In contrast, companies that screw their trading partners to the proverbial wall will find they cannot work as effectively, says Mathias, as those that collaborate seamlessly in an electronic environment designed to help all parties thrive. The age of specialization demands that companies lay down their age-old adversarial relationships with trading partners.
Of course, company practices won’t change overnight. And neither will human nature. Fear, uncertainty and doubt (FUD) has always driven people to hold information close to the vest, even among coworkers. At this early stage of collaboration, companies are struggling to find ways to safely open up. Unless and until partners can see that it is in their own best interest to collaborate, getting them to trust each other will be an uphill battle.
Scott Griffin, vice president and CIO at The Boeing Co., is running up against the trust barrier. Boeing engineers have long shared product design data electronically with their supply chain partners. At that basic level of collaboration, trust has not been a big issue because the arrangement is covered by standard nondisclosure agreements. But a higher level of collaboration, in which the company will integrate its business processes with its partners, holds both the promise of fatter profits and the peril of greater risks, Griffin says.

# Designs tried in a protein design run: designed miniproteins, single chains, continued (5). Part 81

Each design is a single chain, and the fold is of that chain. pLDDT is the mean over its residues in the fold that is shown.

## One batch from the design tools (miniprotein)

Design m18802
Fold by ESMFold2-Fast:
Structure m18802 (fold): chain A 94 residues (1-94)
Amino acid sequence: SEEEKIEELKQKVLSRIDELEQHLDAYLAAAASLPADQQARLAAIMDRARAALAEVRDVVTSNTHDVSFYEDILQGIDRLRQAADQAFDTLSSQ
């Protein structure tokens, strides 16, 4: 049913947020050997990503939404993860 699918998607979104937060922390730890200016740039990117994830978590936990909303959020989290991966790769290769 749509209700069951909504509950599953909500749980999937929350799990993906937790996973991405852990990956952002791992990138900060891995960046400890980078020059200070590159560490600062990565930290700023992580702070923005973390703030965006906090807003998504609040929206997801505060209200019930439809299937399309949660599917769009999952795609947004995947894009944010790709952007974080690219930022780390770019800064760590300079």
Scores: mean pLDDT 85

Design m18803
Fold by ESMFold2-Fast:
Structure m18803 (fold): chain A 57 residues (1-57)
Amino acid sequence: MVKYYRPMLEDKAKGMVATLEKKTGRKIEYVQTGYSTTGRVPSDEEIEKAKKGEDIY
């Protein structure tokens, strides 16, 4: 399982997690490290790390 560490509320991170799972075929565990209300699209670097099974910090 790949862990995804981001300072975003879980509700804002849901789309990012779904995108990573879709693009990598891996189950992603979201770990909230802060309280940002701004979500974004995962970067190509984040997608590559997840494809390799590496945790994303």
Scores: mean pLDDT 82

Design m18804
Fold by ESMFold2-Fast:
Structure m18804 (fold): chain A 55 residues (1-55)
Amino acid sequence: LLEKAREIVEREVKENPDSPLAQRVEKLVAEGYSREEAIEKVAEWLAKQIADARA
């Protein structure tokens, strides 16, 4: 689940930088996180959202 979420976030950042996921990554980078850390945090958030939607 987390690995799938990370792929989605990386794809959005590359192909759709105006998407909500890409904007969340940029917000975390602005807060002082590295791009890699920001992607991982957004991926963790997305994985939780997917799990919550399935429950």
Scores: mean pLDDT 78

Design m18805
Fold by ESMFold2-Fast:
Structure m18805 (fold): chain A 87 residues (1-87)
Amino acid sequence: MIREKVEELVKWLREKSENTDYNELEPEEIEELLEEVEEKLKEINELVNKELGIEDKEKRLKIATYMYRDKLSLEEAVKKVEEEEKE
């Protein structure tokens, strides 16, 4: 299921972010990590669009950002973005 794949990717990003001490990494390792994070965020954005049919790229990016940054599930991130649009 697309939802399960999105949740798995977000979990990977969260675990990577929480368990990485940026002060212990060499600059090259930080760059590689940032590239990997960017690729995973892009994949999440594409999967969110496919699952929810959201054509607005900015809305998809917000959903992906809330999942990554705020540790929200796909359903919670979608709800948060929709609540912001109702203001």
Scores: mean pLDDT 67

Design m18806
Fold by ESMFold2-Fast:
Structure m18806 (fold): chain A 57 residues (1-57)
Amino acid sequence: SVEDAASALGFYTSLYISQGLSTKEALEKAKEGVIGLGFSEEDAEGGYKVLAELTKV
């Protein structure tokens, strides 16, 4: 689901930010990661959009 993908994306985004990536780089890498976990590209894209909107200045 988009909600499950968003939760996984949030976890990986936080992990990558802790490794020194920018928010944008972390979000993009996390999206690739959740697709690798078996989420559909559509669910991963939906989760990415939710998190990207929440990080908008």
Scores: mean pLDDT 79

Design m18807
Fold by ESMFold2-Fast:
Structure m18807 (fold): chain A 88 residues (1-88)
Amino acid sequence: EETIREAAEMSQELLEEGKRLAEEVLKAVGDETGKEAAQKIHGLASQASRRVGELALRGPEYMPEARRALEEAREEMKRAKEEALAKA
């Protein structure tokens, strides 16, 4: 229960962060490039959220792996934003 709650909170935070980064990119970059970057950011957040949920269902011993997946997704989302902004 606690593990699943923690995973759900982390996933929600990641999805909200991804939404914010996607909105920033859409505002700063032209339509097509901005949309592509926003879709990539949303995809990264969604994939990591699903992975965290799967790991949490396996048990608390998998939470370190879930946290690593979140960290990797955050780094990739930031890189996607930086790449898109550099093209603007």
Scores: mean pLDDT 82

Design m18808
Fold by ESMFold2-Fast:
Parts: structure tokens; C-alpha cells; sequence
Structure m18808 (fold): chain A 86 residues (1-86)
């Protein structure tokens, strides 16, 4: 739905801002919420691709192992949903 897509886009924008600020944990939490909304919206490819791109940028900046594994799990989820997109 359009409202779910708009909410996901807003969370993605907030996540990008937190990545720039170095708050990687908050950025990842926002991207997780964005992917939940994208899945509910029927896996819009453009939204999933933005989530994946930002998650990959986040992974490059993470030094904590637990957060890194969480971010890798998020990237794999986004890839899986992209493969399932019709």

In the near future, Boeing engineers and their partners won’t just pass design documents back and forth but will actually share the same product data management system with their partners, as if there were no corporate boundaries. “In this high-level collaboration we will have designers [from all sides] working concurrently. Someone is building the components; someone is designing the assembly; someone is figuring out how to make the assembly; someone is figuring out how the assemblies will go together into subassemblies and then finally into an airplane. That is nirvana as far as collaboration,” says Griffin, speaking from Boeing’s new headquarters in Chicago.